Giving prominence to the market will help tackle industrial overcapacity and transform the current growth model, experts said.
Tuesday's communique after the Third Plenary Session of the 18th Communist Party of China (CPC) Central Committee stressed profound economic reform, with the market to play the decisive role in allocation of resources and the government working harder.
Zhang Jiashou, an economics scholar in south China's Guangxi Zhuang Autonomous Region, said that the reforms will deal with excess capacity.
"It will provide an opportunity for China to finish off extra industrial capacity which is wasting resources," he said.
China currently has severe overcapacity. The average utilization rate in oversupplied sectors such as steel is below 75 percent, far lower than the international average, and around 22 percent of production capacity in China's major industrial companies sat idle in the first half of the year.
Such extra capacity can be seen in Guangxi's Pingguo County, one of the major production bases for the Aluminum Corporation of China (Chinalco), a key state-owned enterprise. The county is known for its aluminum resources and has one of China's biggest aluminum processing industries.
Chinalco in Guangxi has a manufacturing capacity of 150,000 tonnes of electrolytic aluminum annually, but one sixth of that is idle, according to Yang Yurong, factory director.
"Although we have abundant aluminum resources, the high price of electricity price and the falling price of electrolytic aluminum have restricted development, leading to overcapacity," Yang said.
Electrolytic aluminum manufacture consumes a staggering amount of electricity, but lack of unified pricing allows some areas with low electricity costs launch new projects, exacerbating an already grievous overcapacity crisis, he added.
The poor electricity pricing mechanism is just part of a broader picture. Chi Fulin, head of the China Institute for Reform and Development, believed that marketization of productive factors is not good enough, causing waste and excess capacity.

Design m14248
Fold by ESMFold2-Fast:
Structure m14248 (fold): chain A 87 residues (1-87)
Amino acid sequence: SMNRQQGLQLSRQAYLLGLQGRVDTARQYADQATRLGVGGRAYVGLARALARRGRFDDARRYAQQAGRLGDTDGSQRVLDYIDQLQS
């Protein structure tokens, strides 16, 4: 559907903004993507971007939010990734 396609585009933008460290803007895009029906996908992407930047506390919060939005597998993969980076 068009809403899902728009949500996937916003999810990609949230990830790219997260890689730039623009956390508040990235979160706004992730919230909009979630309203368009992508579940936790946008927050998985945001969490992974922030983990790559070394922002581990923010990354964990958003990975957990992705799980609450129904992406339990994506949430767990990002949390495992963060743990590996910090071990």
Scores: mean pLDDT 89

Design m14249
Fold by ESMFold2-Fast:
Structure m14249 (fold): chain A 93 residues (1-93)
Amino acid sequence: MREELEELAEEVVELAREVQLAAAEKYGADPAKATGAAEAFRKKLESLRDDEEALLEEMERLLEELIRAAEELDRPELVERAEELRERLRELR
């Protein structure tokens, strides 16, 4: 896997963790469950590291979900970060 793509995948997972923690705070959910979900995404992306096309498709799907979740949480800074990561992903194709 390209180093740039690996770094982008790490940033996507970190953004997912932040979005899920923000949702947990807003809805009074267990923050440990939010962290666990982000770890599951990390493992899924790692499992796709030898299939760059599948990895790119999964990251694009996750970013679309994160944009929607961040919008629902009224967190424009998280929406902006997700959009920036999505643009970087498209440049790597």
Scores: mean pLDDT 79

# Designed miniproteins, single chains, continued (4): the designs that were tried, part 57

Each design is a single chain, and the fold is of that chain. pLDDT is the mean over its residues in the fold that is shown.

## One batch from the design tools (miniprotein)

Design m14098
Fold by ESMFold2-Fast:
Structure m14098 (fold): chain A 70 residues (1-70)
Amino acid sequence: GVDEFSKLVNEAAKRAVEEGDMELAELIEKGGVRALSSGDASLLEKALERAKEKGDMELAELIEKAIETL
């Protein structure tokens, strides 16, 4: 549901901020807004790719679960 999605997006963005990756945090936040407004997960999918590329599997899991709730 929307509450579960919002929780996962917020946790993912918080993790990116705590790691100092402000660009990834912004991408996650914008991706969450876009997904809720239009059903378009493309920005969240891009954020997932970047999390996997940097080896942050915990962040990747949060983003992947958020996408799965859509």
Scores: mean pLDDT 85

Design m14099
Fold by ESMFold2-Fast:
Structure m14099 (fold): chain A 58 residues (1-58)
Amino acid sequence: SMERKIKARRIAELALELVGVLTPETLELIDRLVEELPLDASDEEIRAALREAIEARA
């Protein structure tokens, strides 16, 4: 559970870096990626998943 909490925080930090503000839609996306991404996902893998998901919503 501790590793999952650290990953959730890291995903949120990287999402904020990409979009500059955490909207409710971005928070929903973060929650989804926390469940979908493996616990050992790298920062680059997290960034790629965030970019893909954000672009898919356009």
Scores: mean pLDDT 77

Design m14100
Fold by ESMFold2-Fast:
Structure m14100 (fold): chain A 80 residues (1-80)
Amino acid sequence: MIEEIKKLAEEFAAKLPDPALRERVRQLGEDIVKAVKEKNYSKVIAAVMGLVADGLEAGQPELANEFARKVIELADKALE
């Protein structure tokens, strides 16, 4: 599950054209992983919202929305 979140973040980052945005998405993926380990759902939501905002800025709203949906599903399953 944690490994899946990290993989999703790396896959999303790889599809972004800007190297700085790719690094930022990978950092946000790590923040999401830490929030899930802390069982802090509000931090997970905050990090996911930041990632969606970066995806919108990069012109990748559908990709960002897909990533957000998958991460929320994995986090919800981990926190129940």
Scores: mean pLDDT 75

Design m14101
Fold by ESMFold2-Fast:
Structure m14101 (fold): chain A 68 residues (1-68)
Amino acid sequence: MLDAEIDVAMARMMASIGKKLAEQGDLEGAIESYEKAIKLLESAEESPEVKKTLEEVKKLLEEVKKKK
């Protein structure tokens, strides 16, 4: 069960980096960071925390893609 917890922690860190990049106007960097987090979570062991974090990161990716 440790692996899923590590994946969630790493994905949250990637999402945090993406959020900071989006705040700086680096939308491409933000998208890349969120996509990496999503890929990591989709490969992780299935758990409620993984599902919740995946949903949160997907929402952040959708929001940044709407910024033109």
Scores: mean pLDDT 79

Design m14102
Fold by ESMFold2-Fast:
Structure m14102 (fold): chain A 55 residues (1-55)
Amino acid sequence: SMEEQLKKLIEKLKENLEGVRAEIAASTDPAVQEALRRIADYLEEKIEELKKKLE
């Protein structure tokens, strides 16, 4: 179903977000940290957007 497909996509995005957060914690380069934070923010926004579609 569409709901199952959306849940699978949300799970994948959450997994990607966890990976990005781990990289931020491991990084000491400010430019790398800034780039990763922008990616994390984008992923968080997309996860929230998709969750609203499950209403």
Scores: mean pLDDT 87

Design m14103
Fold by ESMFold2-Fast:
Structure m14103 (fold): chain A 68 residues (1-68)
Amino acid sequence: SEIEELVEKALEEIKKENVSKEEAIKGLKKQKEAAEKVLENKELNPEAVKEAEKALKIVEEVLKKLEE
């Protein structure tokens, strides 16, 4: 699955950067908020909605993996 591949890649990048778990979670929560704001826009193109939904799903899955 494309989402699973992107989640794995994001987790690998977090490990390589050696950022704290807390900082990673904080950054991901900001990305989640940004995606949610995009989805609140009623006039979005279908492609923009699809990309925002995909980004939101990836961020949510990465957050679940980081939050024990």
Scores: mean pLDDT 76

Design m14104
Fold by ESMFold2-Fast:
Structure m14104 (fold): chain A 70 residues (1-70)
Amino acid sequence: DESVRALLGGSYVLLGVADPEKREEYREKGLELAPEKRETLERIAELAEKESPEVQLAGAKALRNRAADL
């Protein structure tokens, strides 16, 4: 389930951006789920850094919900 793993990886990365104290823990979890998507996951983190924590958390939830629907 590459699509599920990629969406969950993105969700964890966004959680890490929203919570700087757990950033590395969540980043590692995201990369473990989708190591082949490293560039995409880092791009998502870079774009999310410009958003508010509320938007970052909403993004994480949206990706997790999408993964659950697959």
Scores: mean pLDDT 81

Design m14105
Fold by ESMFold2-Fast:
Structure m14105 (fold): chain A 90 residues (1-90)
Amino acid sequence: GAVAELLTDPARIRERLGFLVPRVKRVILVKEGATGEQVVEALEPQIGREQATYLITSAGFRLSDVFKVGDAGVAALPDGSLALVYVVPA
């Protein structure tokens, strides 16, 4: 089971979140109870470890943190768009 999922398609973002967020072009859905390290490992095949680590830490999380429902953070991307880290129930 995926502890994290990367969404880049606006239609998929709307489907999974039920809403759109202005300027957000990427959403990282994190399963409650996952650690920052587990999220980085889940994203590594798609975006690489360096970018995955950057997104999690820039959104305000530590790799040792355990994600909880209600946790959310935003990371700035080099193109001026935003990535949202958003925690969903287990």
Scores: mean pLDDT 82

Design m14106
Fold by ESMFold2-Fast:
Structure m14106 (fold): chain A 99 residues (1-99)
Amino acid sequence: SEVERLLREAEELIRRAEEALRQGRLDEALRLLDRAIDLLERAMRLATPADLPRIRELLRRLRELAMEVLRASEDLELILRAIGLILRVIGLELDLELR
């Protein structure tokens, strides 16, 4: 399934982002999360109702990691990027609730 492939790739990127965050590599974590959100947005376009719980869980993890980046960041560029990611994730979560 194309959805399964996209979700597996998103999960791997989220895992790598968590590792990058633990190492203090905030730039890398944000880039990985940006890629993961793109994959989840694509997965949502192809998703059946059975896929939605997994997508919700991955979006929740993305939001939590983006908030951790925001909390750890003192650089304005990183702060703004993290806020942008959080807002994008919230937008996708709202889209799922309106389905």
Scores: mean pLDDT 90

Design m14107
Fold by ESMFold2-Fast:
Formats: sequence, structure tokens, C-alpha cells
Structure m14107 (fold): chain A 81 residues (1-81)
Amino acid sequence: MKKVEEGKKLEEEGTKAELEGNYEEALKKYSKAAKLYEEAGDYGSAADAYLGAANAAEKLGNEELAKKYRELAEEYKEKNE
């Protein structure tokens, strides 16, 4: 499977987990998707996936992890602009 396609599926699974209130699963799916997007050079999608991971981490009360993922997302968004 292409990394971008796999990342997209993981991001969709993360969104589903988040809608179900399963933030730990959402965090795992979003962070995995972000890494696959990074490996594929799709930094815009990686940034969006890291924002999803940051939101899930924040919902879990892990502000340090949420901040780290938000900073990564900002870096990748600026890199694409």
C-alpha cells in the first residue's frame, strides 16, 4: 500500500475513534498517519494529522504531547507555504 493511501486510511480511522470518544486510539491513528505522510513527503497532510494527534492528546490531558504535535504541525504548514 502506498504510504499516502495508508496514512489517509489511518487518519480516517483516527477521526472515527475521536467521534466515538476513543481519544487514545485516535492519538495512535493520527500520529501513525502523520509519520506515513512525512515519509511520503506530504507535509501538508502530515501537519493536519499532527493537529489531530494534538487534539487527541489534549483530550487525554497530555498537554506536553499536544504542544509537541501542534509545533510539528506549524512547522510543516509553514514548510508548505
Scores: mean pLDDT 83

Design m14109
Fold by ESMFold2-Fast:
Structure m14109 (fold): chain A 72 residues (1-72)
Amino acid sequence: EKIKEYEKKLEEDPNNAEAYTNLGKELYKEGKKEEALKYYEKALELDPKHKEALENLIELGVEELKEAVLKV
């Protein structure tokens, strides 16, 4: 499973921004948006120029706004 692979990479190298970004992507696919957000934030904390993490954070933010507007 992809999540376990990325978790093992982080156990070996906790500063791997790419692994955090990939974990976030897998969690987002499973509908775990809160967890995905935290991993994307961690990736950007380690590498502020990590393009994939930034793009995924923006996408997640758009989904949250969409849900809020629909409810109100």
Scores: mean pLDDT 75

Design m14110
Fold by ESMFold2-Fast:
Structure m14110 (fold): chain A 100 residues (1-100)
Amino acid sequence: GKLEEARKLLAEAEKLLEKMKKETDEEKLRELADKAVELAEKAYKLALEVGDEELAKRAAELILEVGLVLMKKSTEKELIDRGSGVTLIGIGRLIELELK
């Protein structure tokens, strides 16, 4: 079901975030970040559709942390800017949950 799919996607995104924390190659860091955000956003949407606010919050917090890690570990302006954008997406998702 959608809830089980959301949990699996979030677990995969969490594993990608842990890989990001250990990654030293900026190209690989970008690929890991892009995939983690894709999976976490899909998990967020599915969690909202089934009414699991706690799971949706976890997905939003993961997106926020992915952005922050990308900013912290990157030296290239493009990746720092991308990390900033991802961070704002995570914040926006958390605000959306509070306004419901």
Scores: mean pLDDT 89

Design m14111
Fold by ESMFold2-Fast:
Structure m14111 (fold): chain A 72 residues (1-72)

"Over the past 30 years, marketization level of the commodities has grown by leaps and bounds, a glaring contrast to other production factors such as natural gas, coal, electricity," Chi said.
Another reason for excess industrial capacity is too much local governments intervention, which has blurred the line between marketization and interference, said Zhao Zhenhua, an economist at the Party School of the Central Committee of the Communist Party of China (CPC).
Zhao noted that in many parts of China, slogans promoting big projects and investments can be seen everywhere, showing local governments' blind passions for economic development.
"What appears to be overcapacity is in fact a revelation of blind competition among local governments," Zhao said, adding that too much artificial interference has contributed to repeated production.
As China's economy slowed, extra capacity became a major issue, one that the central government is now resolved to tackle.
In October, the State Council, China's cabinet, issued a guideline on overcapacity in each sector: new projects expanding capacity are forbidden, projects under construction should be reappraised, illegal capacity should be cleared up, outmoded capacity should be eliminated in an orderly way.
Liu Shengjun, another researcher, pointed out that the market is the most efficient way of tackling extra capacity, as it guides allocation of resources by supply and demand.
"Governments should repeal mechanisms that obstruct the market, such as subsidies," he said.
More reform in pricing of productive factors is expected, analysts said.
Zhang Jiashou said that at a critical juncture of transforming its economy, the core of economic reform should be the relationship between government and market.
"Industrial overcapacity could be resolved and a market mechanism could truly be established on the principal of 'survival of the fittest' ," he said.